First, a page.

It looks like you're using an Ad Blocker.

Please white-list or disable AboveTopSecret.com in your ad-blocking tool.

Thank you.

 

Some features of ATS will be disabled while you continue to use an ad-blocker.

 

Why do I have to believe in God to be a Mason?

page: 1
0
<<   2 >>

log in

join
share:

posted on Feb, 1 2007 @ 05:38 PM
link   
I have been very interested in Freemasonry lately but found out I have to believe in a supreme being to be a member. Well I don't know that there is and don't know if there isn't. I wouldnt call myself an antheist but the Judaism , Islam and Christianity doctrine makes no sense to me. Could I still be a Mason? Why do I have to believe in a God at all to be a member.




posted on Feb, 1 2007 @ 05:58 PM
link   
It doesn't matter what you "believe"; because AElohim, Adi-Buddha, Allah, Christ, RA, Ausar, Kether, AIN SOPH, Ahura Mazda, AMEN, Tara, Jehovah, Brahma, The TAO, Auset/Isis, etc., etc., etc....

...are all of the same Ancient Universal Gnosis of which the "G" in the Square and Compass, according to Albert Pike and a few others, means "Gnosis"; as well as "God", "Geometry", "Grand Architect", etc.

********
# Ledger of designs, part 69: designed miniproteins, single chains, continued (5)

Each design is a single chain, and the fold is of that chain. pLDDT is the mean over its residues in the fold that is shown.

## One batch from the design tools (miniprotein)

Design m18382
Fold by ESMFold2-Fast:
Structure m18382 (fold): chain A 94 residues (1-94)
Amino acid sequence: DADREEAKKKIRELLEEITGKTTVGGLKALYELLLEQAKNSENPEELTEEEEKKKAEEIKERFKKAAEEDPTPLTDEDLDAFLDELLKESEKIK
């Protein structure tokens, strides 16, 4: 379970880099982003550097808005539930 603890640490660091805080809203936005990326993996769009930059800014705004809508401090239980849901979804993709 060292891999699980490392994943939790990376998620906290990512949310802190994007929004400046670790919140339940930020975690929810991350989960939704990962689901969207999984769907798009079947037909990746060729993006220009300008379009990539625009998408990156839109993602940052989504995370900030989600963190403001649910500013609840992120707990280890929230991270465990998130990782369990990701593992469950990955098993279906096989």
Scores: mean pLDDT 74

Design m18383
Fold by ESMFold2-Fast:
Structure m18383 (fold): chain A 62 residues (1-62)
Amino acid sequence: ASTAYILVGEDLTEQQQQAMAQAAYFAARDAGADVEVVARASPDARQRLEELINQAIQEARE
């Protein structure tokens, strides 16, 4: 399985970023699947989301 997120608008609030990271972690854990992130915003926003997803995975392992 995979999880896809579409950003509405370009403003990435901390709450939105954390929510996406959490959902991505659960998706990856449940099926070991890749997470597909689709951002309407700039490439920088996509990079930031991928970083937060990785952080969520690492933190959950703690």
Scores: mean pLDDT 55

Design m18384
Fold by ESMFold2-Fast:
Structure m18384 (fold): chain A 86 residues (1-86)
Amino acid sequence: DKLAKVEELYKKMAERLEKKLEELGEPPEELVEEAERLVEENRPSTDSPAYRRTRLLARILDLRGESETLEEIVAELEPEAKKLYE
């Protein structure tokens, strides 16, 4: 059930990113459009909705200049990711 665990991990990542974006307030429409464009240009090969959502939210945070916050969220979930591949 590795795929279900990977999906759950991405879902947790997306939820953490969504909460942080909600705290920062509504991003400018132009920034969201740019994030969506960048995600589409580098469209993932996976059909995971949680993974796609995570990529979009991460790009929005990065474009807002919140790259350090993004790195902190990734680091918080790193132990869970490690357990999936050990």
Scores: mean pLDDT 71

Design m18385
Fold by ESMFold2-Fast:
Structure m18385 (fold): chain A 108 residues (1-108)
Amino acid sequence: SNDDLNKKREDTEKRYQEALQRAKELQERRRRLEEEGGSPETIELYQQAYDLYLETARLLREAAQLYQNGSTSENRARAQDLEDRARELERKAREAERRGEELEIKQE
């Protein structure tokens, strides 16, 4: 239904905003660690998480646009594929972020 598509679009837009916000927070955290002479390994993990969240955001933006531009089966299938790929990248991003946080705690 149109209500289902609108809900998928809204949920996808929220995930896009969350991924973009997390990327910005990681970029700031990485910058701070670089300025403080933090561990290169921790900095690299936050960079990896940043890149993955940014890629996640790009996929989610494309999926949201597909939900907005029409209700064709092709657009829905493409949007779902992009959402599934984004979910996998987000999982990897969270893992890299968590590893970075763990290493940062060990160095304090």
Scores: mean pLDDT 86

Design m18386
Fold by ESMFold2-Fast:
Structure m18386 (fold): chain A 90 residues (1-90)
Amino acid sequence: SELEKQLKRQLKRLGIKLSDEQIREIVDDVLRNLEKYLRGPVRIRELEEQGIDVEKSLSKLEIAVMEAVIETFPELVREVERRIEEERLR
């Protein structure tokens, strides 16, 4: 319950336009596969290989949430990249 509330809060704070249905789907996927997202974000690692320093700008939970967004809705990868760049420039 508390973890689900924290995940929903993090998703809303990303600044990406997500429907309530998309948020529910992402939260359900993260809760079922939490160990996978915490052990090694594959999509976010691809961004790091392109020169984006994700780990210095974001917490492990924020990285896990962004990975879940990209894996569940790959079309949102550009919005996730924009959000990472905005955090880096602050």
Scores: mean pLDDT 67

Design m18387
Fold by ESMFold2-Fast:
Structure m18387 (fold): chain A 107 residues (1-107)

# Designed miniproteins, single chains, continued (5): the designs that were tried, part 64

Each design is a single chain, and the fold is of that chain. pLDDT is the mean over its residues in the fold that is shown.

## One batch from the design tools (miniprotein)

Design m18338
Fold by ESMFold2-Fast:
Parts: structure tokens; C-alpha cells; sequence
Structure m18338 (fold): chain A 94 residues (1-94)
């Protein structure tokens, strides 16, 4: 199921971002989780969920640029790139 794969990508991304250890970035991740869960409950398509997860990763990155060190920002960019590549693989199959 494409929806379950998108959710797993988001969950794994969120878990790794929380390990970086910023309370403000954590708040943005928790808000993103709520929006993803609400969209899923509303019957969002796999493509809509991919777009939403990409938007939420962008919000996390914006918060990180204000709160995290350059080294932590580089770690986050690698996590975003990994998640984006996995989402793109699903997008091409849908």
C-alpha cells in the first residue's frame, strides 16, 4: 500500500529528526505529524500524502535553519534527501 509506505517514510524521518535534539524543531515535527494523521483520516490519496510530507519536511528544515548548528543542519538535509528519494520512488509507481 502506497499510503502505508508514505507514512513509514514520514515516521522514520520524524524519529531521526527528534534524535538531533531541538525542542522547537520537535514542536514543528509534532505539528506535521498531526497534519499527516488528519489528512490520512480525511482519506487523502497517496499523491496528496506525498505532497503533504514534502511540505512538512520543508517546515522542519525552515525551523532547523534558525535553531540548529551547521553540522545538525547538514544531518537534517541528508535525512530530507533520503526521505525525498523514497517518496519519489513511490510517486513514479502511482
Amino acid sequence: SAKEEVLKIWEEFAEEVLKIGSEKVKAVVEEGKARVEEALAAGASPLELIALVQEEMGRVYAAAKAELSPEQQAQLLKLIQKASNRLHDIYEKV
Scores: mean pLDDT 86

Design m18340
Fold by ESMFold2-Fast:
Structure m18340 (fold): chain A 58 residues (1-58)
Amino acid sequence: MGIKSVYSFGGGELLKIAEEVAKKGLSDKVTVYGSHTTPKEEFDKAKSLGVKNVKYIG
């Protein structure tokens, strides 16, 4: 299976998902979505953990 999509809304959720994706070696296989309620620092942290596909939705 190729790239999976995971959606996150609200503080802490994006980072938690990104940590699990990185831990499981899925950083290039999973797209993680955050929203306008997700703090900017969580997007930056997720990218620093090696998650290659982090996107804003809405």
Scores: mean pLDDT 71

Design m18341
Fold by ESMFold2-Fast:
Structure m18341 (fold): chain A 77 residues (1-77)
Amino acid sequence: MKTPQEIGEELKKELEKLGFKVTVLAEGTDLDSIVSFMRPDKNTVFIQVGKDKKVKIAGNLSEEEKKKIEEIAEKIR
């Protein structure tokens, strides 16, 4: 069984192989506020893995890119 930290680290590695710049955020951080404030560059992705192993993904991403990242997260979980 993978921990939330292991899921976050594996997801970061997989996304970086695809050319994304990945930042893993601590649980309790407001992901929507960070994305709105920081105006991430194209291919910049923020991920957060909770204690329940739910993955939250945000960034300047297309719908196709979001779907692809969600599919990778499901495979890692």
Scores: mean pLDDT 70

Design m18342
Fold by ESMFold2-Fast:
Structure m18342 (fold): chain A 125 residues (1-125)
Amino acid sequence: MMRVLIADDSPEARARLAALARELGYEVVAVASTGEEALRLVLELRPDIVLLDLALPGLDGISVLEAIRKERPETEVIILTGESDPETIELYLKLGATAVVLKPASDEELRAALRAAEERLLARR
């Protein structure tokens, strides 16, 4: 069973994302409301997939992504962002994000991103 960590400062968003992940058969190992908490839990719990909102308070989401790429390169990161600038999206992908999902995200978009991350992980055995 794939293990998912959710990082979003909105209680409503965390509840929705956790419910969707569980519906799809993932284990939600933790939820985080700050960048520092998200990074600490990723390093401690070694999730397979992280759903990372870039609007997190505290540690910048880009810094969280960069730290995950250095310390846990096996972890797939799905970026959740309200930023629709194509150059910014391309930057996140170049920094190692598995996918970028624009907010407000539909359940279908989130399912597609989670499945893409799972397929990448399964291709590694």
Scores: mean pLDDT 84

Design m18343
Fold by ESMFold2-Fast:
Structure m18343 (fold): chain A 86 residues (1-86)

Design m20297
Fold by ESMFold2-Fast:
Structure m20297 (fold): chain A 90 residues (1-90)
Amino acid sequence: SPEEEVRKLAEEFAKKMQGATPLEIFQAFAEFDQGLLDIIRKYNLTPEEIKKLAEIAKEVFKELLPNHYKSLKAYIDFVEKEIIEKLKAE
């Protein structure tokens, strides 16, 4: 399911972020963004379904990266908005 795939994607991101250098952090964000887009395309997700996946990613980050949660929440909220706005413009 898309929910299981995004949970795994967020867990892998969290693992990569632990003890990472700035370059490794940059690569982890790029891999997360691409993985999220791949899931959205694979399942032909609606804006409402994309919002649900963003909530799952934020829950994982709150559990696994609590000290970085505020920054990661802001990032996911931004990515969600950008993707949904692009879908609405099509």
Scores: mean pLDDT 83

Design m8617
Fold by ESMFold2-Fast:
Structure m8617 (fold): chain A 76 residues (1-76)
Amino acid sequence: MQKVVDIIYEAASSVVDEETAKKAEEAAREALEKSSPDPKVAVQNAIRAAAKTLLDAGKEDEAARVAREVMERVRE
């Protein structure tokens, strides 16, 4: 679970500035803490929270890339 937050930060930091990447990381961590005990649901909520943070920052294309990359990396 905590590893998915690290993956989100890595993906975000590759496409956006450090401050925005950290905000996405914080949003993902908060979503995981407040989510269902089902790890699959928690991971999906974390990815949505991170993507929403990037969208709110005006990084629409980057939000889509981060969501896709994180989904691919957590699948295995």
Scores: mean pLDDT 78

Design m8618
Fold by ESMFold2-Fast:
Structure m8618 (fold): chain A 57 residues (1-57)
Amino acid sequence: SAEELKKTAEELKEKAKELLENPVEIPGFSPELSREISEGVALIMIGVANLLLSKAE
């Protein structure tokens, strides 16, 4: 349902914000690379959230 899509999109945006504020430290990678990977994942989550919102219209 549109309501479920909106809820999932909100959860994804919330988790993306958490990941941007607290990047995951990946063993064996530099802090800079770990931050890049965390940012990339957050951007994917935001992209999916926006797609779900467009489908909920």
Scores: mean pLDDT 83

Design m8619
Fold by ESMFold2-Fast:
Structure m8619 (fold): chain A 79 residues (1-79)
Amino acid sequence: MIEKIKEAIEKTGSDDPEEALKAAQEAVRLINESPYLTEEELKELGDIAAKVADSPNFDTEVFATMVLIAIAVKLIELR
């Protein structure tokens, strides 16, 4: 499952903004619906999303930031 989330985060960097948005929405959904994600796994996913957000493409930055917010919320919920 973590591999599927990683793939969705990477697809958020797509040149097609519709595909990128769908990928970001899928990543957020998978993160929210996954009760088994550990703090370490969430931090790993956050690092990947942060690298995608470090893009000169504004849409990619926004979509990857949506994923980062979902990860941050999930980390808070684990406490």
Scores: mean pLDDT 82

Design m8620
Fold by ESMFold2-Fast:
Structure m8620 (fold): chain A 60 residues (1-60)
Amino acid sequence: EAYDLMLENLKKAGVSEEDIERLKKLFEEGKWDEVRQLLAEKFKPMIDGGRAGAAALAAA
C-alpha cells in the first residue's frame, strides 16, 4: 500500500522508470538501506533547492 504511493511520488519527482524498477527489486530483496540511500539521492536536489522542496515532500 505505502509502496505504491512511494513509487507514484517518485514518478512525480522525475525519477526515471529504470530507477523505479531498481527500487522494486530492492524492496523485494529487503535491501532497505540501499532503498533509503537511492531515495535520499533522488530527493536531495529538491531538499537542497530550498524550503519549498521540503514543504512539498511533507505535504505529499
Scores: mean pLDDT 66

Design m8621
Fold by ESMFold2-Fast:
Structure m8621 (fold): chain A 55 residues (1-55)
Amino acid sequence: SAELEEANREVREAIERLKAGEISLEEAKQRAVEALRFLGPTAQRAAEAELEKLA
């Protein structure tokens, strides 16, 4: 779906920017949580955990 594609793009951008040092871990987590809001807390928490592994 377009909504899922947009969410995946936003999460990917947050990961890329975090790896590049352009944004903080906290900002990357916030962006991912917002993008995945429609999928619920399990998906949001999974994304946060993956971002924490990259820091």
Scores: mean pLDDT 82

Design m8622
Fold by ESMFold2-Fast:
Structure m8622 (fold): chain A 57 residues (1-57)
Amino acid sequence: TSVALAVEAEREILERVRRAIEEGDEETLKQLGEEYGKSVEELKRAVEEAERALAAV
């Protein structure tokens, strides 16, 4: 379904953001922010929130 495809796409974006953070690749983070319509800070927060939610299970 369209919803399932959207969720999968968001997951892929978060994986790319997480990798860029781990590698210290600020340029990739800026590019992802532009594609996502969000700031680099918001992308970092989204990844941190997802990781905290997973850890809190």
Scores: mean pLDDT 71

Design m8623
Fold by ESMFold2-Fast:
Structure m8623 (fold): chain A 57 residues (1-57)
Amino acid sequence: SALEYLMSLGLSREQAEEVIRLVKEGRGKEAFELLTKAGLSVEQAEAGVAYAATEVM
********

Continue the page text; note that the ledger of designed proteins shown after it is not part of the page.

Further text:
So long as you "believe", you can join.


But an atheist is just an intellectual-imbecile; because, that there is a formless Divine Intelligence that directs the functioning and interdependent-workings of the entire Cosmos, is self-evident.


But Gnosis is not about belief; it is about Seeing One's Inner Divine Nature(Neter) directly.


An agnostic is one who does not know: A(not)-Gnostic(one who knows).



So us 'little brothers' who are beginning to study Gnosis, might be considered as "A-Gnostic" in a way; because we start by believing in Gnosis, until we regenerate our atrophied internal-senses through Yogic and Tantric practice(these practices are veiled in the Christian Gospels and Masonic Rituals as well).

Then we Know directly about the Superior Dimensions, beyond 'Euclid's Third Dimension', through which the Divinity works.



Anyway, even though Masonry is not a Religion per-se; it is Religious.


Also, Gnosis is not the same as contemporary Masonry; but the latter is however based on the former.





[edit on 1-2-2007 by Tamahu]



posted on Feb, 1 2007 @ 06:10 PM
link